With little takers for fresh milk from cows, Lingesh* (name changed on request), a cattle rearer and milk producer in Selaiyur, sold five out of his 35 cattle for Rs 1 lakh three weeks ago. More than a month has gone by under lockdown and his losses are mounting.
“During normal times, selling a cow would fetch me at least Rs 35,000. As the lockdown has affected my finances badly, I did not have a choice but to settle for whatever the buyer offered,” he said.
A large number of people in the city prefer buying milk from these milk vendors, instead of going for pasteurised milk. Such customers can enquire about the source, and also value the freedom to visit their farms to check out production standards and practices in person. Many residents prefer fresh cattle milk over packed ones due to their health benefits and quality.
“I am undergoing treatment for ulcer and my doctor advised me not to consume pasteurised milk, as they contain preservatives which are bad for healing,” says Parvathi, a resident of Tambaram, who relies on fresh cattle milk vendors.
The lockdown, however, has dealt a big blow to the business of fresh milk. Fully covered, with masks and gloves and maintaining social distance, milk vendors roam the neighbourhoods every morning and evening, hoping to sell to their regular customers. But most gated communities and apartments, and even some houses, no longer allow them entry for fear of contracting the virus; the vendors are therefore in a limbo.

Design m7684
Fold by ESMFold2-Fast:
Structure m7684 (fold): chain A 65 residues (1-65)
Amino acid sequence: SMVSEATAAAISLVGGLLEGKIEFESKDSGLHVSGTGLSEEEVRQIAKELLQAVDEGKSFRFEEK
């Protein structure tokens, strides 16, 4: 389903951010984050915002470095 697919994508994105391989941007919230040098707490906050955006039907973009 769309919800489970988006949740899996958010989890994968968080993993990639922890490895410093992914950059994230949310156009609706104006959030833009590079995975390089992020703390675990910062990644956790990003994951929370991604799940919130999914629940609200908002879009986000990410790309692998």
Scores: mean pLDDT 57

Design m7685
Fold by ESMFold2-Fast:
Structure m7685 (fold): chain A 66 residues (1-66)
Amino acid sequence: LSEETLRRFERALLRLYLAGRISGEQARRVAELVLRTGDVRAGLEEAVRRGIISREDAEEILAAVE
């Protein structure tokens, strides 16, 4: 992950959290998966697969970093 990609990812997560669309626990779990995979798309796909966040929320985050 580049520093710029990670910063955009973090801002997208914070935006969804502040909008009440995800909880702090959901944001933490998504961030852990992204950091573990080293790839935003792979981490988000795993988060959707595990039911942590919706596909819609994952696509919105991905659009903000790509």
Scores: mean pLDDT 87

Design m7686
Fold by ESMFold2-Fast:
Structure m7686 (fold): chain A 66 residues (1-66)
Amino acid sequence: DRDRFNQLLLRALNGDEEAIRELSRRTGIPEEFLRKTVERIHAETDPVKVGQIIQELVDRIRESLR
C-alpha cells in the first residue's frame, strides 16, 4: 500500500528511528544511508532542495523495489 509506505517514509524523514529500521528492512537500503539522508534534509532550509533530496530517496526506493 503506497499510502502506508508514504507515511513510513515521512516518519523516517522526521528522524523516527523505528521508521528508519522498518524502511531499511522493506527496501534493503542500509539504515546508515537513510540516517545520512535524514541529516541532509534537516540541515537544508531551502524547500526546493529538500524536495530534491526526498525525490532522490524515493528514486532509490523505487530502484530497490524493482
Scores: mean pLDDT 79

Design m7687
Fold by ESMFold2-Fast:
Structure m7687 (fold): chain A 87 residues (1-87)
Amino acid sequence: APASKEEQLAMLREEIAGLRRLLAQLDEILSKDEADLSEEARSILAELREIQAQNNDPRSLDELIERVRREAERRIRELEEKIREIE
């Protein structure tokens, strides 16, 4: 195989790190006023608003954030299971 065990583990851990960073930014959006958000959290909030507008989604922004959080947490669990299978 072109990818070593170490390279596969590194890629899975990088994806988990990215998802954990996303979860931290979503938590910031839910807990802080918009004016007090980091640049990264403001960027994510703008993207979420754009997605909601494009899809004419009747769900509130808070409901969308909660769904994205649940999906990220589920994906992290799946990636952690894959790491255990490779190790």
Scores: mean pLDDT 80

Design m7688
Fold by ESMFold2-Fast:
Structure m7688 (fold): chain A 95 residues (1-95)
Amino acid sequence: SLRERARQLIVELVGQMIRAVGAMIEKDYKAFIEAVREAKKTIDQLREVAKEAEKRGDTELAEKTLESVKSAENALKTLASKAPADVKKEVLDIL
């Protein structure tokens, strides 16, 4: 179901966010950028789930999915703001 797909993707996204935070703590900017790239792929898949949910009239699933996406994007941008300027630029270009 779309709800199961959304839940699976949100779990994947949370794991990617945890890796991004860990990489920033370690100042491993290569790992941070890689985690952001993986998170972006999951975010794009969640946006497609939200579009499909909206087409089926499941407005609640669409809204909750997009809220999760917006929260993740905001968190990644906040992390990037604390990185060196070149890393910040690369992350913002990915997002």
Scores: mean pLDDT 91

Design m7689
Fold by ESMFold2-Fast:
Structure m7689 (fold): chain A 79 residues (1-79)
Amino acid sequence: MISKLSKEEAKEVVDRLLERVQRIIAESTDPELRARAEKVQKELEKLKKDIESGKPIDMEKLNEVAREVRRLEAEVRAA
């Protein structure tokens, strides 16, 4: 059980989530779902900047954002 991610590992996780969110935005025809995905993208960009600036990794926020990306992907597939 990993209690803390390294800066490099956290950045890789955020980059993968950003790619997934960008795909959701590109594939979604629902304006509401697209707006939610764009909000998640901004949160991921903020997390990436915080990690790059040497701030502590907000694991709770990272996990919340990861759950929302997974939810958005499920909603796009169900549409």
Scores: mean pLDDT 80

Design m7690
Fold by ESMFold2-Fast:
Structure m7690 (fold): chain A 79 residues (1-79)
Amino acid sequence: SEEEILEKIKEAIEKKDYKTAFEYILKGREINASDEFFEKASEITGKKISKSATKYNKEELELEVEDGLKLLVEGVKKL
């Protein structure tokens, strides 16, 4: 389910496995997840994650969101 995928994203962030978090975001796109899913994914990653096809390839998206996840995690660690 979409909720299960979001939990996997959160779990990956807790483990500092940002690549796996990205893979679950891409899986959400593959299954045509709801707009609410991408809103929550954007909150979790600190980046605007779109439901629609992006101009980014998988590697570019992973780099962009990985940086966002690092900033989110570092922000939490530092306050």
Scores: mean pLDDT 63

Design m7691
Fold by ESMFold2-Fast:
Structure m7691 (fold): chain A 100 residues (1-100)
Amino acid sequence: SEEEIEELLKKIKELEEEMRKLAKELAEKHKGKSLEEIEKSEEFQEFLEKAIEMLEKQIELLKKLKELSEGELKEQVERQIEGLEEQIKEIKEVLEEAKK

Lingesh’s case is a typical example; he has witnessed more than 50% drop in his regular customer base, because of the prevailing paranoia. In some places, customers themselves have gone back to their native places. One month of lockdown has translated to a loss of around Rs 40,000 for him. With no alternative source of income, Lingesh had no choice but to sell the cattle to pay his loans and make ends meet.
The demand for milk in Chennai is also largely dependent on restaurants and tea shops, besides individual citizen consumers. As the mercury levels rise, the sale of smoothies and milkshakes increases and so does the demand for milk. So, with the closure of dine-in restaurants and cafes, and curbs on vehicular movement, the milk vendors’ distribution chain has taken a hard hit this summer.
Treading in the footsteps of their ancestors, over 300 families in Triplicane maintain their own dairy farms. For over five generations, cattle and milk business has been the only source of income for many of these people. However, the outbreak of the coronavirus disease has resulted in extreme distress among the community.
Many milkmen from the neighbourhood farms say they had to dump fresh cattle milk down the drain. “I had zero sales for several days after the lockdown was announced. I froze the milk and tried to sell it in residential areas, but there were no takers. I had no choice but to just throw around 400 litres of milk,” said R Raja, a milk vendor from Triplicane. Raja’s customer base consists primarily of commercial chains such as bakeries, hotels and restaurants.
There was a brief glimmer of hope when the Chennai Corporation lifted the restrictions on hotels (only take-aways) and bakeries. “We had decent sales for a few days. But then the sales dipped again because of the intense lockdown,” says Raja.
As demand dips, Ramkumar, a milk supplier from Avadi, has another battle to fight. “My delivery boys have to pass through highways to supply milk to our customers. Even though we come under essential services, the cops harass and delay them for no reason,” he said.